Charities Must Demonstrate They Protect Donors' Privacy
By Henry Goldstein
Reprinted with permission from The Chronicle of Philanthropy, January 2005
The American Civil Liberties Union has generated a major controversy within its ranks by conducting undisclosed research on donors and potential donors. The situation has already sparked an investigation by the New York State attorney general that could have serious implications not just for the civil-liberties group but also for many other charities unless the organizations move quickly to reassure donors that protecting their privacy is paramount.
Like most other charities, the civil-liberties union conducts sophisticated electronic research on its donors to aid its fund raising, a technique often referred to as data mining. The organization got into trouble with its board members and donors over those practices because it lustily criticizes businesses for doing basically the same thing -- collecting information on customers to boost marketing efforts.
New York's politically ambitious attorney general and candidate for governor, Eliot Spitzer, is looking into whether the civil-liberties union is violating its own privacy policies. He is also investigating whether the union's board was fully aware of the research activity conducted by a company hired to analyze the giving potential of donors.
Anthony Romero, the executive director of the ACLU, who previously worked as a program officer at the Ford Foundation, says the organization acted properly and simply examines information in the public record, and does not use data collected under circumstances where people are not given the option to keep it private, such as driver's-license information and credit-card histories.
It is easy for other charities to dismiss the matter, saying that it is an internal squabble over one organization's board policy -- and that the question of the ACLU's apparent hypocrisy will not spill over to other organizations.
But that is not necessarily the case. To be sure, most charities are conducting research on donors and on potential contributors. Whether the research is done by a staff member sitting at her computer searching Google, or the job has been farmed out to a specialist, nonprofit groups all use pretty much the same databases, such as census information, Securities and Exchange Commission reports, online biographical information, corporate directories, and the like. Indeed, an entire industry of data-mining consultants has been spawned. But unless directly confronted, virtually none of the charities tell their donors explicitly what privacy policies it follows on donor information, or specifically whether they are gathering information other than name and address, gift amount, and gift history.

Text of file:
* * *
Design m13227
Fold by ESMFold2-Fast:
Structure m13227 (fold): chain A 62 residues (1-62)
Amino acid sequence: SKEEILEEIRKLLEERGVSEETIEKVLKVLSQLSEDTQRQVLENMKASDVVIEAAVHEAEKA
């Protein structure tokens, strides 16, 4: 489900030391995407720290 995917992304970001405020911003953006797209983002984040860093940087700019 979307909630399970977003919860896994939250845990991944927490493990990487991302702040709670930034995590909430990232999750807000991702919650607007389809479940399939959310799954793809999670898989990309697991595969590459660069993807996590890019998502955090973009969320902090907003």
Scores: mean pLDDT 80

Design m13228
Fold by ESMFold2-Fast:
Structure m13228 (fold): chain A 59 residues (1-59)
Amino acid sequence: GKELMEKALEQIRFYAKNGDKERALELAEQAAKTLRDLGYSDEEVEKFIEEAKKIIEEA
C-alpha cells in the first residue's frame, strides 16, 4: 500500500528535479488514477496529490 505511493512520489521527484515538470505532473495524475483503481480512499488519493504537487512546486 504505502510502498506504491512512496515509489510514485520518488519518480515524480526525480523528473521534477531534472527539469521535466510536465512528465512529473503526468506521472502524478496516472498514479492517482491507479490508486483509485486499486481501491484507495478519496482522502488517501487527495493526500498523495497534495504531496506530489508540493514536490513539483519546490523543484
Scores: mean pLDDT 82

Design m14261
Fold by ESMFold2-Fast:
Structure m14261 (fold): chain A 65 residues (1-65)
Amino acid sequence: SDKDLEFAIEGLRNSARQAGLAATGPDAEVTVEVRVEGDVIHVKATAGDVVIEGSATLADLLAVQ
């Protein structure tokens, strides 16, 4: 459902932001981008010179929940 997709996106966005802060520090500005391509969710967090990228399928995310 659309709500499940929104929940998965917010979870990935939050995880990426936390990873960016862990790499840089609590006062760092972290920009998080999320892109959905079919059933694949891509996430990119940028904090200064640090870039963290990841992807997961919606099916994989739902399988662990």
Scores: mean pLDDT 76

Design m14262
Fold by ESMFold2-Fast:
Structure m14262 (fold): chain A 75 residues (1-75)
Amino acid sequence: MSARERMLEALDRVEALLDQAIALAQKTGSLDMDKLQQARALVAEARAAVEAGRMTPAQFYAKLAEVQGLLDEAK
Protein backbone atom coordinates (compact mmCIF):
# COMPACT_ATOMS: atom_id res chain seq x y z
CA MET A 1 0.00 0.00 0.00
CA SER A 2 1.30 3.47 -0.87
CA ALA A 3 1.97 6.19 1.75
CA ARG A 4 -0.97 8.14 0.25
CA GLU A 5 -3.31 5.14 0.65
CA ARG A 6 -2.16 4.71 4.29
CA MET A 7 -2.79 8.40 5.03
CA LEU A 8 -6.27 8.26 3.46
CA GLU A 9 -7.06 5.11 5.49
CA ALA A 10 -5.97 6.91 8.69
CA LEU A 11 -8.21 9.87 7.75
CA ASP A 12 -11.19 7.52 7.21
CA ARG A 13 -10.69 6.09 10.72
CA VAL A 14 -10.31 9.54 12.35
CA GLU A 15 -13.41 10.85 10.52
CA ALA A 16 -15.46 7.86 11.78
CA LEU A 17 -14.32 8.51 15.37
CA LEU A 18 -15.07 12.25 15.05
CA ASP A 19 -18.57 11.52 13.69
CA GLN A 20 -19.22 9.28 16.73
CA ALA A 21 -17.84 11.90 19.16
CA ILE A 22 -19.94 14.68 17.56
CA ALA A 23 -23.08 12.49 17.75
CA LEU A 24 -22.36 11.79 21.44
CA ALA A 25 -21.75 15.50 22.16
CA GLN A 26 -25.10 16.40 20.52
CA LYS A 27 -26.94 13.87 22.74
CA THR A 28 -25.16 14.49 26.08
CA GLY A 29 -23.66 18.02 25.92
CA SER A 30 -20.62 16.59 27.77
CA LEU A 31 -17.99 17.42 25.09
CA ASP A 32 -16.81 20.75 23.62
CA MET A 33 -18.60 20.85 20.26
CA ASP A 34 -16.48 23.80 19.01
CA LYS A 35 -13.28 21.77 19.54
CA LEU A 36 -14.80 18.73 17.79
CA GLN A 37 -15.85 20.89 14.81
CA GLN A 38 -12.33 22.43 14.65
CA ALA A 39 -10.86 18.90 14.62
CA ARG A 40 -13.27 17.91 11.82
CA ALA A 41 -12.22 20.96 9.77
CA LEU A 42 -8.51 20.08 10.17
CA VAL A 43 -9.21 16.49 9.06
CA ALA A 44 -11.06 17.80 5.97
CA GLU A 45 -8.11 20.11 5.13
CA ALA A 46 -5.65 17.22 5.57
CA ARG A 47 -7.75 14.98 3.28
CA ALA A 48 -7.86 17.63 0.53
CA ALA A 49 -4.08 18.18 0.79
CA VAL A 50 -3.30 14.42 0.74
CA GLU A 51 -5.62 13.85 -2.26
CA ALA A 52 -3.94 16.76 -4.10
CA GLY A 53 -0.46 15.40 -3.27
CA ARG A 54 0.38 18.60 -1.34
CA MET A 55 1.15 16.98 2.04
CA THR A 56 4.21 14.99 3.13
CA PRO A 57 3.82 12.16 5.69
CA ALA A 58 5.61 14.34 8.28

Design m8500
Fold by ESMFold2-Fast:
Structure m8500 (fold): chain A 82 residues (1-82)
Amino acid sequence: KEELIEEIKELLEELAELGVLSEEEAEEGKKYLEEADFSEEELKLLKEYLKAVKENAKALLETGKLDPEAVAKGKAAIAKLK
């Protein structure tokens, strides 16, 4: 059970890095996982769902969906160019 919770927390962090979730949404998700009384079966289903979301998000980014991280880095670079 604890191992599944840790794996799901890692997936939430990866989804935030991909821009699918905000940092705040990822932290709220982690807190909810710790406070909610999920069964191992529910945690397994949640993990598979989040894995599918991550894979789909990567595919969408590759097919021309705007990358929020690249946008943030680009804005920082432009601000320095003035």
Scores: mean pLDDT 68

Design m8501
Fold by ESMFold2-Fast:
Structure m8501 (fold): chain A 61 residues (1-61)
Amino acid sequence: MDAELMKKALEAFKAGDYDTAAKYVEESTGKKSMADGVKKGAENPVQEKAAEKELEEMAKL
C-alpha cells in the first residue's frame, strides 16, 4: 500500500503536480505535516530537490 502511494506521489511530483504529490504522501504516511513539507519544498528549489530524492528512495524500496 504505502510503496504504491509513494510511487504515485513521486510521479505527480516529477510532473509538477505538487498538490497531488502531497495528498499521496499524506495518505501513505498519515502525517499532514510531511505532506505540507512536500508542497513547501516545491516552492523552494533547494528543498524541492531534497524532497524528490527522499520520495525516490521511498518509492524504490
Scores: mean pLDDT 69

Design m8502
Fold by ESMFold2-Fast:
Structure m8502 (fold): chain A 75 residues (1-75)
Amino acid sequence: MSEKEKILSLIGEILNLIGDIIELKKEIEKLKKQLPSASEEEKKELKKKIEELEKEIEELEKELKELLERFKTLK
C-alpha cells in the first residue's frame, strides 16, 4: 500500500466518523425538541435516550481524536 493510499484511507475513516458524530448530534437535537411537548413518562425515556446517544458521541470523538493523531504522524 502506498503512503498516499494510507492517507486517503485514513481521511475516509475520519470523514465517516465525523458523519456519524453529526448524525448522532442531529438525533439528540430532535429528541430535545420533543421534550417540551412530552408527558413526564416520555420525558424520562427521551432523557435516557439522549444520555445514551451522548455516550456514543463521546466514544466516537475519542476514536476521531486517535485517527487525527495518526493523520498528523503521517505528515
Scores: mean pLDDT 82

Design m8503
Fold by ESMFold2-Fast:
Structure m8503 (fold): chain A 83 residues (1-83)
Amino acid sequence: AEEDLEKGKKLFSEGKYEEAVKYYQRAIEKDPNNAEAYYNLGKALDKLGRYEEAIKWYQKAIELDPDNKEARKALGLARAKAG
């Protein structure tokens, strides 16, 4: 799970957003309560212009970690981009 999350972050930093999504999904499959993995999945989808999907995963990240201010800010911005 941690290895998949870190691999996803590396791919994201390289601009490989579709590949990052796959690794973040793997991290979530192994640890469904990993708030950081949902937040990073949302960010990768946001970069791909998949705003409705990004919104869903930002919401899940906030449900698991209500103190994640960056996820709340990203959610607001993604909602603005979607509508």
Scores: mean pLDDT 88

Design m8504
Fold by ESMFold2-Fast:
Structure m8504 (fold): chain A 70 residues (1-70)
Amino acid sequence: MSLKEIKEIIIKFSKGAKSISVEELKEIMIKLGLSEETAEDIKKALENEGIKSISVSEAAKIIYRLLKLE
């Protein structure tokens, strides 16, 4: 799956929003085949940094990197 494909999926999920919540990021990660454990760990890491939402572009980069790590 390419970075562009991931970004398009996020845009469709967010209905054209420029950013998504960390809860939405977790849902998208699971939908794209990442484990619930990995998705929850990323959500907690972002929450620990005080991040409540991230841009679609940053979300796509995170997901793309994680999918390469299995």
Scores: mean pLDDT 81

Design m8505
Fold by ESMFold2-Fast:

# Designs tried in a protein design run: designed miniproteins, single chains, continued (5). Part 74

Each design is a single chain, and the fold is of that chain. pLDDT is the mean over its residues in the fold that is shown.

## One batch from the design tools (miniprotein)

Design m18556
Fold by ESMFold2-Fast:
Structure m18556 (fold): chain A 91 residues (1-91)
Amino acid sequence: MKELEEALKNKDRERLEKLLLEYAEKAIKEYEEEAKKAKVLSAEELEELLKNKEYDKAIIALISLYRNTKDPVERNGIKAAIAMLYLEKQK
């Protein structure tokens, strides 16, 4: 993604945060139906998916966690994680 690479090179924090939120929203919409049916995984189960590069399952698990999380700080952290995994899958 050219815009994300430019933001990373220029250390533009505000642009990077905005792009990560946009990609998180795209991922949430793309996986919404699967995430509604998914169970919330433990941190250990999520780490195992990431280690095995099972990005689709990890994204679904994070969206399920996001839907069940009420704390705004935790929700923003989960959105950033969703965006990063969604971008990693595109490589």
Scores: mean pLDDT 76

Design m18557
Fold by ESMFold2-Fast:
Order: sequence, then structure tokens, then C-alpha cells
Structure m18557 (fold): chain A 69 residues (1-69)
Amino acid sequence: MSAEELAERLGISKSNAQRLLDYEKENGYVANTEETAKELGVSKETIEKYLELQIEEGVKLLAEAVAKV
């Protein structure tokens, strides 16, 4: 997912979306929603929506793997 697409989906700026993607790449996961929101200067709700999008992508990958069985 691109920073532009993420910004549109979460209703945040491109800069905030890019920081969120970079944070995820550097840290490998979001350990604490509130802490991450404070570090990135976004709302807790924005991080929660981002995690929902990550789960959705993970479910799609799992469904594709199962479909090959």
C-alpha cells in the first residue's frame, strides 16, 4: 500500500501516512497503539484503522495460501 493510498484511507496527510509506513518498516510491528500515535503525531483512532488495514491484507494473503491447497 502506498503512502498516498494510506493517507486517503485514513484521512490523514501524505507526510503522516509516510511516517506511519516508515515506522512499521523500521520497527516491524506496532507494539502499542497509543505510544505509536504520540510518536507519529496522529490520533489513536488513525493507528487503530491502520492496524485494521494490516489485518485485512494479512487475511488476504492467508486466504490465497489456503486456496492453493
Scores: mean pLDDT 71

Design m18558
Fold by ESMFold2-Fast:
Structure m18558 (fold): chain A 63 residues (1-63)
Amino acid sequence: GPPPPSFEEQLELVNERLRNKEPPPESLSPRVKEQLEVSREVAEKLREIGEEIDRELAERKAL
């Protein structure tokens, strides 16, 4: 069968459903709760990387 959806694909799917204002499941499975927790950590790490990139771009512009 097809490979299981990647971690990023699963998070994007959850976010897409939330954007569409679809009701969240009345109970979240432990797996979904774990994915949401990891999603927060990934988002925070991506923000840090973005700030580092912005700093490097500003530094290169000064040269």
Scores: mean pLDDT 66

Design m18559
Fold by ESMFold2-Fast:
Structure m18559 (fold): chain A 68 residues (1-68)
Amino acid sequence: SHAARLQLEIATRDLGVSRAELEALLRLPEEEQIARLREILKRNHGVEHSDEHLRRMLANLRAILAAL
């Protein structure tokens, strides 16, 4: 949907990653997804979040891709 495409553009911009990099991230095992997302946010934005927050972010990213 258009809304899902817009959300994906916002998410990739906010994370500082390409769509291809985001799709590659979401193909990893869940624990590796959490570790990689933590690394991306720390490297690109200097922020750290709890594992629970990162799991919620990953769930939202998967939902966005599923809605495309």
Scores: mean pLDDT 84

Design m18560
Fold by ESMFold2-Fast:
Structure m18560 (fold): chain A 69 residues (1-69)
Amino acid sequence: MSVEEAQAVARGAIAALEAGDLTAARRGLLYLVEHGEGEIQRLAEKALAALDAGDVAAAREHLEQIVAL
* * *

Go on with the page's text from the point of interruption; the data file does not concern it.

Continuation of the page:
Charities are hardly the only organizations in society that have put Americans' historic and protected right to privacy under siege. But for nonprofit groups, the privacy flap further damages the do-good image that is already sinking in the public's esteem, as Paul Light, a New York University professor and Brookings Institution scholar, has found in his extensive polling of Americans' attitudes toward charities. Even as the industry struggles to explain away this increasing lack of confidence, mostly through denial, Senate hearings on excess compensation to charity and foundation officials, as well as pending legislation to strengthen regulation of charities in states across the country, strongly indicate all is not well.
In 1993 the Association of Fundraising Professionals and other charity leaders adopted what they call the Donor Bill of Rights, a good step forward. But the Donor Bill of Rights does not deal specifically with donors' right to privacy. The closest it comes is to state that donors should have “the opportunity for their names to be deleted from mailing lists that an organization may intend to share.”
Two specific actions can and should be taken:
First, a provision should be added to the Donor Bill of Rights to deal specifically with privacy and make clear that any data-gathering activity will be clearly disclosed.
Second, every charity that is doing external research should disclose that to its donors and prospective contributors, and offer a way for anyone to avoid being the target of such research, just as charities offer donors an option to avoid having their names and addresses shared with others.
Americans know that their commercial transactions are recorded, segmented, analyzed, and exchanged with other marketers. From Amazon.com to Wal-Mart to the corner drugstore, marketers are always peeking into your life. That charity has caught up with business, or, rather, been caught up by it, may sadden but cannot shock.
The ethical test is simple. The donor has a right to know.
Henry Goldstein, president of the Oram Group, a fund-raising consulting company in New York, is a regular contributor to these pages. Click here to send an email.